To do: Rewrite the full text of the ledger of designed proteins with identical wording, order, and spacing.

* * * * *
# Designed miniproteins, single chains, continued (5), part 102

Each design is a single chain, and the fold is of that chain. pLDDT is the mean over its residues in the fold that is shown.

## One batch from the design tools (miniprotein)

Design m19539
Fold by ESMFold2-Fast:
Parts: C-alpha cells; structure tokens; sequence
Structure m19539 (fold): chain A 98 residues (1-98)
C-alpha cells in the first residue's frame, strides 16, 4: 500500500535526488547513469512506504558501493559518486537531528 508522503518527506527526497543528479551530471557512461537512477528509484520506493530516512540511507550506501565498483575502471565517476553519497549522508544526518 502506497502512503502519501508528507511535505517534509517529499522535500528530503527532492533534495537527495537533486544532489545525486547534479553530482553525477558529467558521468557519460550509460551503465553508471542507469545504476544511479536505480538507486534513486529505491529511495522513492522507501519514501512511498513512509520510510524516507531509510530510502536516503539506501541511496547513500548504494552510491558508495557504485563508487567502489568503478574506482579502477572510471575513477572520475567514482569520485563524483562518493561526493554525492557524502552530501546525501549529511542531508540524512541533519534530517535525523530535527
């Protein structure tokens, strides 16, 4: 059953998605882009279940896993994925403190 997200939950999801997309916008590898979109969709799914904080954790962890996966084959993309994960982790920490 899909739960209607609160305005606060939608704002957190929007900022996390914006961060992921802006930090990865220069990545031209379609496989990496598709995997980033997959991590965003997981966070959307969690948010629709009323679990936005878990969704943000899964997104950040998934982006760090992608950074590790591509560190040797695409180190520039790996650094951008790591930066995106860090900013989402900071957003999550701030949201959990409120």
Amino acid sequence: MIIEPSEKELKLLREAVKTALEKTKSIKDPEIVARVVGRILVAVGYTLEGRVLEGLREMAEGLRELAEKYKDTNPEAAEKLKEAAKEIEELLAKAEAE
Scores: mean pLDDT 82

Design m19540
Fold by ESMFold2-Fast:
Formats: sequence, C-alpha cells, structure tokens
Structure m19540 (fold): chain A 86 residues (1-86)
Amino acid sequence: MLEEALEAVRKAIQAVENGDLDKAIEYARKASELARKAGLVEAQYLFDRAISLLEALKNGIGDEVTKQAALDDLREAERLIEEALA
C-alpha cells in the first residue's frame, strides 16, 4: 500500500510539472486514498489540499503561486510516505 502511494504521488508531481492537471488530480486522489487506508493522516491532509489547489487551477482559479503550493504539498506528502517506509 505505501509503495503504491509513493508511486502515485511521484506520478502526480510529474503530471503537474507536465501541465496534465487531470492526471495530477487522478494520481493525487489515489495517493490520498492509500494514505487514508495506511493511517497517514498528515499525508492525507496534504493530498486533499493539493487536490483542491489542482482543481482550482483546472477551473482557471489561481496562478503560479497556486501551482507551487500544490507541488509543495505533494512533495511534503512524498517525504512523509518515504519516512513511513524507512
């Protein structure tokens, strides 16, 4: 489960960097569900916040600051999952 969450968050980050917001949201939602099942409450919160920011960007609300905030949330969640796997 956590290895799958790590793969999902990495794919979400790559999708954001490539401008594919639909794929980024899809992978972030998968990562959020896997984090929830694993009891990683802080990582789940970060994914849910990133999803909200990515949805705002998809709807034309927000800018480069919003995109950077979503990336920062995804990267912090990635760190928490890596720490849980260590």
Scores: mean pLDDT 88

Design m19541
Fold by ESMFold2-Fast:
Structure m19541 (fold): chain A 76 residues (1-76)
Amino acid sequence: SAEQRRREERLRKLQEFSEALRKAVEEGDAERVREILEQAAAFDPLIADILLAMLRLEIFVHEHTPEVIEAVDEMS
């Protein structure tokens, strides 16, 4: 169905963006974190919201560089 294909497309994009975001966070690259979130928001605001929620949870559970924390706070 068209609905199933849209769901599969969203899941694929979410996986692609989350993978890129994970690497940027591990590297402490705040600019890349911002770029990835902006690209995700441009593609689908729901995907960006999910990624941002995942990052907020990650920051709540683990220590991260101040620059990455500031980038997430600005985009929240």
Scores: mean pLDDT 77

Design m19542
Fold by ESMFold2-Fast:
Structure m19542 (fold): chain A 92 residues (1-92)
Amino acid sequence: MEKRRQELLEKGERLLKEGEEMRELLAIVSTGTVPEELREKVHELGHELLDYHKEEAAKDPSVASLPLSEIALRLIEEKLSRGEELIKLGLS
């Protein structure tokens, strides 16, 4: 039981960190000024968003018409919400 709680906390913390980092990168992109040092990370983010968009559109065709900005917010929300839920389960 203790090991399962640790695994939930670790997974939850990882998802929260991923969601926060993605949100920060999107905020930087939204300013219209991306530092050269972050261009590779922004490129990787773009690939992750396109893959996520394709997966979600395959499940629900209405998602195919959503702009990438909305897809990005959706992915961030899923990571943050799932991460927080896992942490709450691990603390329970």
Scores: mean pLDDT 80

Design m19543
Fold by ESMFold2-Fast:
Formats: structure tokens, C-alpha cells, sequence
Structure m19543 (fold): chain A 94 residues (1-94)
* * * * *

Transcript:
# Designed miniproteins, single chains, continued (5), part 102

Each design is a single chain, and the fold is of that chain. pLDDT is the mean over its residues in the fold that is shown.

## One batch from the design tools (miniprotein)

Design m19539
Fold by ESMFold2-Fast:
Parts: C-alpha cells; structure tokens; sequence
Structure m19539 (fold): chain A 98 residues (1-98)
C-alpha cells in the first residue's frame, strides 16, 4: 500500500535526488547513469512506504558501493559518486537531528 508522503518527506527526497543528479551530471557512461537512477528509484520506493530516512540511507550506501565498483575502471565517476553519497549522508544526518 502506497502512503502519501508528507511535505517534509517529499522535500528530503527532492533534495537527495537533486544532489545525486547534479553530482553525477558529467558521468557519460550509460551503465553508471542507469545504476544511479536505480538507486534513486529505491529511495522513492522507501519514501512511498513512509520510510524516507531509510530510502536516503539506501541511496547513500548504494552510491558508495557504485563508487567502489568503478574506482579502477572510471575513477572520475567514482569520485563524483562518493561526493554525492557524502552530501546525501549529511542531508540524512541533519534530517535525523530535527
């Protein structure tokens, strides 16, 4: 059953998605882009279940896993994925403190 997200939950999801997309916008590898979109969709799914904080954790962890996966084959993309994960982790920490 899909739960209607609160305005606060939608704002957190929007900022996390914006961060992921802006930090990865220069990545031209379609496989990496598709995997980033997959991590965003997981966070959307969690948010629709009323679990936005878990969704943000899964997104950040998934982006760090992608950074590790591509560190040797695409180190520039790996650094951008790591930066995106860090900013989402900071957003999550701030949201959990409120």
Amino acid sequence: MIIEPSEKELKLLREAVKTALEKTKSIKDPEIVARVVGRILVAVGYTLEGRVLEGLREMAEGLRELAEKYKDTNPEAAEKLKEAAKEIEELLAKAEAE
Scores: mean pLDDT 82

Design m19540
Fold by ESMFold2-Fast:
Formats: sequence, C-alpha cells, structure tokens
Structure m19540 (fold): chain A 86 residues (1-86)
Amino acid sequence: MLEEALEAVRKAIQAVENGDLDKAIEYARKASELARKAGLVEAQYLFDRAISLLEALKNGIGDEVTKQAALDDLREAERLIEEALA
C-alpha cells in the first residue's frame, strides 16, 4: 500500500510539472486514498489540499503561486510516505 502511494504521488508531481492537471488530480486522489487506508493522516491532509489547489487551477482559479503550493504539498506528502517506509 505505501509503495503504491509513493508511486502515485511521484506520478502526480510529474503530471503537474507536465501541465496534465487531470492526471495530477487522478494520481493525487489515489495517493490520498492509500494514505487514508495506511493511517497517514498528515499525508492525507496534504493530498486533499493539493487536490483542491489542482482543481482550482483546472477551473482557471489561481496562478503560479497556486501551482507551487500544490507541488509543495505533494512533495511534503512524498517525504512523509518515504519516512513511513524507512
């Protein structure tokens, strides 16, 4: 489960960097569900916040600051999952 969450968050980050917001949201939602099942409450919160920011960007609300905030949330969640796997 956590290895799958790590793969999902990495794919979400790559999708954001490539401008594919639909794929980024899809992978972030998968990562959020896997984090929830694993009891990683802080990582789940970060994914849910990133999803909200990515949805705002998809709807034309927000800018480069919003995109950077979503990336920062995804990267912090990635760190928490890596720490849980260590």
Scores: mean pLDDT 88

Design m19541
Fold by ESMFold2-Fast:
Structure m19541 (fold): chain A 76 residues (1-76)
Amino acid sequence: SAEQRRREERLRKLQEFSEALRKAVEEGDAERVREILEQAAAFDPLIADILLAMLRLEIFVHEHTPEVIEAVDEMS
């Protein structure tokens, strides 16, 4: 169905963006974190919201560089 294909497309994009975001966070690259979130928001605001929620949870559970924390706070 068209609905199933849209769901599969969203899941694929979410996986692609989350993978890129994970690497940027591990590297402490705040600019890349911002770029990835902006690209995700441009593609689908729901995907960006999910990624941002995942990052907020990650920051709540683990220590991260101040620059990455500031980038997430600005985009929240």
Scores: mean pLDDT 77

Design m19542
Fold by ESMFold2-Fast:
Structure m19542 (fold): chain A 92 residues (1-92)
Amino acid sequence: MEKRRQELLEKGERLLKEGEEMRELLAIVSTGTVPEELREKVHELGHELLDYHKEEAAKDPSVASLPLSEIALRLIEEKLSRGEELIKLGLS
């Protein structure tokens, strides 16, 4: 039981960190000024968003018409919400 709680906390913390980092990168992109040092990370983010968009559109065709900005917010929300839920389960 203790090991399962640790695994939930670790997974939850990882998802929260991923969601926060993605949100920060999107905020930087939204300013219209991306530092050269972050261009590779922004490129990787773009690939992750396109893959996520394709997966979600395959499940629900209405998602195919959503702009990438909305897809990005959706992915961030899923990571943050799932991460927080896992942490709450691990603390329970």
Scores: mean pLDDT 80

Design m19543
Fold by ESMFold2-Fast:
Formats: structure tokens, C-alpha cells, sequence
Structure m19543 (fold): chain A 94 residues (1-94)